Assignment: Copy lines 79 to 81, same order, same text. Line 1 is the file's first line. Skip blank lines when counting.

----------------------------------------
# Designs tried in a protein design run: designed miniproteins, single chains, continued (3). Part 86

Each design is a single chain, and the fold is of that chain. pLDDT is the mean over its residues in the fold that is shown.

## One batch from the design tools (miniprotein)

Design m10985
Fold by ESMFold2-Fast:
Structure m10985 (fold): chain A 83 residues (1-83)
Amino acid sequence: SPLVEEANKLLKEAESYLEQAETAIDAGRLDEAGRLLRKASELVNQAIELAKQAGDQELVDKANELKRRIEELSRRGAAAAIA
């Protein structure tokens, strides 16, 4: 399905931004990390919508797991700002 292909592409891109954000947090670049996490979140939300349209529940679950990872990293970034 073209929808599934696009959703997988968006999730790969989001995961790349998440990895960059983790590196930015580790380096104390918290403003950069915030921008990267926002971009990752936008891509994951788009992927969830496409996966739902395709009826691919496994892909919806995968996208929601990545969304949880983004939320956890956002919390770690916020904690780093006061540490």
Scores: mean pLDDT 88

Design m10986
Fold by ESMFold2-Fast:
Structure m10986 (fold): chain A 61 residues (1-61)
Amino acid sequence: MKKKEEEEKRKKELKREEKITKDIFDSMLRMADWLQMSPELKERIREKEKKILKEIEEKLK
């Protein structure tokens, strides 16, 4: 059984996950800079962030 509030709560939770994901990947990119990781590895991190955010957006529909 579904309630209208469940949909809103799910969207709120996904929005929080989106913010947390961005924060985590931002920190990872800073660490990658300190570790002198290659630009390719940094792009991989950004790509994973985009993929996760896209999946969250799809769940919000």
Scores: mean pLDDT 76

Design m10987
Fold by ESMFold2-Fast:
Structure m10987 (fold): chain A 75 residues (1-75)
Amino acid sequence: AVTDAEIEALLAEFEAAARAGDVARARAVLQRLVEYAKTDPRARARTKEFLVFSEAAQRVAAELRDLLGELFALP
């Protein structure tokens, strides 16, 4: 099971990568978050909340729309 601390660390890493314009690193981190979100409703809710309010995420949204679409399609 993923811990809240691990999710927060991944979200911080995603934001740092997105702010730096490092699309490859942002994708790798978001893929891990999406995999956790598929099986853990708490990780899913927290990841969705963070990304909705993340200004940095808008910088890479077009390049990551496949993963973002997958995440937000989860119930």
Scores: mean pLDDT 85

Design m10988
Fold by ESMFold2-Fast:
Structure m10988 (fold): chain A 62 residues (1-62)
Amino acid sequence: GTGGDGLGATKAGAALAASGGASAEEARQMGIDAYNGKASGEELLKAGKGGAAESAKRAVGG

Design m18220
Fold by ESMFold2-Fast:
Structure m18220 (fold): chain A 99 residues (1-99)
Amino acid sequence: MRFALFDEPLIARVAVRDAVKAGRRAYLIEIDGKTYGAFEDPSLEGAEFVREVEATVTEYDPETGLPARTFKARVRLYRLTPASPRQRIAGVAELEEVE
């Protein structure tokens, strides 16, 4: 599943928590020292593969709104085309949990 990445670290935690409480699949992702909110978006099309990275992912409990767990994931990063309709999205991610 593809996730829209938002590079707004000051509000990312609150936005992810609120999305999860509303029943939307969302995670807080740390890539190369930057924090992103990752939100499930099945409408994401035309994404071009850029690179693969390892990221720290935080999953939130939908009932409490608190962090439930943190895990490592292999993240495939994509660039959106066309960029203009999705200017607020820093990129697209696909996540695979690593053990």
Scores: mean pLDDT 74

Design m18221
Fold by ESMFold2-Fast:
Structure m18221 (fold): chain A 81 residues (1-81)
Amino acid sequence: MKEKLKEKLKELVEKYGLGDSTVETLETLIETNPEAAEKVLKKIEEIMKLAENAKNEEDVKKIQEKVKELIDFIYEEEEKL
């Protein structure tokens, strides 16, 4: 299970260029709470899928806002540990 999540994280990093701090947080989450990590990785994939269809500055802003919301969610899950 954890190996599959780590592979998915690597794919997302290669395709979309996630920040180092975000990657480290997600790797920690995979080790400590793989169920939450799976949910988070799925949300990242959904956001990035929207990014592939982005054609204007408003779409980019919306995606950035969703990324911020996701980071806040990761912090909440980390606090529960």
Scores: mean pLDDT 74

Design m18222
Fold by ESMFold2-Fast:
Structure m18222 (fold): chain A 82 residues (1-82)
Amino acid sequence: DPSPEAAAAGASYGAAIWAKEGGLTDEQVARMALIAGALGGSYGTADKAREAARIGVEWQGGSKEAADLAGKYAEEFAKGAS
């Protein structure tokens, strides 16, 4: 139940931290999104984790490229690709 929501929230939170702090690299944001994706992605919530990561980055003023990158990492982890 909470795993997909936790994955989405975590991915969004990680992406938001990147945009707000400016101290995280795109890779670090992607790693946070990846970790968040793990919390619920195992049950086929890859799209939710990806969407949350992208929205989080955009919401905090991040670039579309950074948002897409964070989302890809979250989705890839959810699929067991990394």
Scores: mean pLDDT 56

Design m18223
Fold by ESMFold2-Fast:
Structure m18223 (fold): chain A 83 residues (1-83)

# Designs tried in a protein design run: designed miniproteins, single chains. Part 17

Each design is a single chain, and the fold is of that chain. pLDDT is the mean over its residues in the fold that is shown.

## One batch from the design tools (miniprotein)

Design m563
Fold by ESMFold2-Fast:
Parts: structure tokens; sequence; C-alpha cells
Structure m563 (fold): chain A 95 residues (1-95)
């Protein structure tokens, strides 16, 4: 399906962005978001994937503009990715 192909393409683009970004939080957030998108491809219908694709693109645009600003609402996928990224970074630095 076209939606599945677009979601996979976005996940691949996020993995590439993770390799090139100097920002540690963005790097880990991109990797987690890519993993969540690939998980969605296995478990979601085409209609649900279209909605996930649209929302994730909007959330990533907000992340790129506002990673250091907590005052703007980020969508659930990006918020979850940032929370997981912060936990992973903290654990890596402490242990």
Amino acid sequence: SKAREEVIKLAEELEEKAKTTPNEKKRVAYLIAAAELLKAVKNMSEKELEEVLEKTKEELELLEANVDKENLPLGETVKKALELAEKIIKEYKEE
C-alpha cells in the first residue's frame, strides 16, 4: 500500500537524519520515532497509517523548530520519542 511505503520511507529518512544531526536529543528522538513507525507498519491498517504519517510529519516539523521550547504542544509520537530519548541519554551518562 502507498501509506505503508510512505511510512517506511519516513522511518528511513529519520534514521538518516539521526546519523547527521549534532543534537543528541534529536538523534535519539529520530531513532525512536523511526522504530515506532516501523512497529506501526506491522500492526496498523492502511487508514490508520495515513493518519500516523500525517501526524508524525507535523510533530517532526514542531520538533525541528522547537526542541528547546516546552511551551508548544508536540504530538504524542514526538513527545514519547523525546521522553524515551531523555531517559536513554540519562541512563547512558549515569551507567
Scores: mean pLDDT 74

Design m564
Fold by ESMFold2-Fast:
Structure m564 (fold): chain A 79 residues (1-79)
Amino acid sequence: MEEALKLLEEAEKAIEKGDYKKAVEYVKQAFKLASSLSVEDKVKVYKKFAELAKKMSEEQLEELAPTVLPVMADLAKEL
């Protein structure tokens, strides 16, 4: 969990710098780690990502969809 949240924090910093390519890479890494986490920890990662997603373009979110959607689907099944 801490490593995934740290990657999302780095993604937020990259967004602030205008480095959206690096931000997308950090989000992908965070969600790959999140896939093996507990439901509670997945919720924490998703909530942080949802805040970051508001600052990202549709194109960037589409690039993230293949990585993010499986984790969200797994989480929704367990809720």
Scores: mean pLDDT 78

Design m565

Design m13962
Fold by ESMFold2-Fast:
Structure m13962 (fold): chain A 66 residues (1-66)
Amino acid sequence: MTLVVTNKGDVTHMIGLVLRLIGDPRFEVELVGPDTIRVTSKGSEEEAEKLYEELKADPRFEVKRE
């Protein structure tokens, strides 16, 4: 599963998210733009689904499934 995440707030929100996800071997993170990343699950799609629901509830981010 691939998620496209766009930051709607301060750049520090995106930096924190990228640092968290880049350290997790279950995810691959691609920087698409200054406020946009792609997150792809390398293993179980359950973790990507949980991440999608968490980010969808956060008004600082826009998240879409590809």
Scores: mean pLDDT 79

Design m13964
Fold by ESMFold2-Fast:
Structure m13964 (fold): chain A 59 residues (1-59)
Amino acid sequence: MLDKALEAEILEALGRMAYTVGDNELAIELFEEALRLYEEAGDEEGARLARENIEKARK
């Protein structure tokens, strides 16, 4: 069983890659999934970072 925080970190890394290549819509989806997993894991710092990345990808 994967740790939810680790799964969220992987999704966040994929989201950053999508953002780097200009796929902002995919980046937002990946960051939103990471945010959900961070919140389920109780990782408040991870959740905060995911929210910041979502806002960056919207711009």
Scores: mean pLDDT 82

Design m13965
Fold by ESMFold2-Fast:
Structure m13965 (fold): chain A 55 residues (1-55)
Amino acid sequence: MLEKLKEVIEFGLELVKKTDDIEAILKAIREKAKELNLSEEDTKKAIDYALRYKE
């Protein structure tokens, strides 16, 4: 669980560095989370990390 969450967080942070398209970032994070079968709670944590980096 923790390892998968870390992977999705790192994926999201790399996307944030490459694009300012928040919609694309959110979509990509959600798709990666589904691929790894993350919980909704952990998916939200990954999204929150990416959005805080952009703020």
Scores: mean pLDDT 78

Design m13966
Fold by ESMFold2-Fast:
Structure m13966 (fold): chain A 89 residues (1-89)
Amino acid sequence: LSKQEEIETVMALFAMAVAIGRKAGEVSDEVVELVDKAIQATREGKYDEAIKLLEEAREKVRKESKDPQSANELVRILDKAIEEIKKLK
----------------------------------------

Structure m13965 (fold): chain A 55 residues (1-55)
Amino acid sequence: MLEKLKEVIEFGLELVKKTDDIEAILKAIREKAKELNLSEEDTKKAIDYALRYKE
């Protein structure tokens, strides 16, 4: 669980560095989370990390 969450967080942070398209970032994070079968709670944590980096 923790390892998968870390992977999705790192994926999201790399996307944030490459694009300012928040919609694309959110979509990509959600798709990666589904691929790894993350919980909704952990998916939200990954999204929150990416959005805080952009703020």